Tuesday, January 20, 2015

Is life giving you a bad shake?

“This too shall pass.”  -  Unknown

“Fulfill me, make me happy, make me feel safe, tell me who I am.  The world cannot give you these things, and when you no longer have such expectations, all self-created suffering comes to an end.”  -  Eckhart Tolle

     One of my first mentors had a genius for saying things that would get under my skin.  One of the things that bothered me was his use of the phrase “This too shall pass.”  Something “good” would happen and upon sharing it with him he would stoically say:  “This too shall pass.”  Something “bad” would happen and I was looking for solutions.  “This too shall pass” he would say.  Quite frankly I got sick of hearing it, and I was angered because I didn’t think he was empathetic enough.  When things are good shouldn’t I revel in them so as to enjoy them to the fullest?  And surely when things are bad a grave and somber demeanor is best if it is a solution we are after.  Maybe this attitude would bring me some comfort during “bad” times, and surely this attitude would decrease my ability to enjoy the “good” times.  Besides, if I turn myself into an emotionless drone, what is the use of living?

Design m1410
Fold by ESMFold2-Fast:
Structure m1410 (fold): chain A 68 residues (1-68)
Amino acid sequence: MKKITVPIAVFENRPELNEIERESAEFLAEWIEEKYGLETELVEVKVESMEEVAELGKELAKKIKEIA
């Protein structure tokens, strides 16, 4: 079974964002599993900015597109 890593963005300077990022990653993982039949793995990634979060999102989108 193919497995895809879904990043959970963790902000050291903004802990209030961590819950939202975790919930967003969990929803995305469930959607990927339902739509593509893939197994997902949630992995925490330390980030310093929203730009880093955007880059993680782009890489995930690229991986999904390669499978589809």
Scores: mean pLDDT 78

Of course I was missing the whole point.  When I confuse my current circumstances with my identity I subject both my contentment and self worth to the whims of an ever changing world.  Things that make me “happy” I both clutch and grasp at or I overindulge in, thus assuring that any “happiness” they will not linger for long.  And things that make me “sad” I resist and fight, thus insuring that they will linger.  As Tolle says, “What we resist persists, what we fight grows stronger.”  Through such actions my attitude and my sense of self-worth are totally dependent upon the tides of “fate,” something over which I have not a bit of control.  And because I have thus made myself vulnerable to things I cannot change I have given up my freedom of choice as it relates to my own emotions.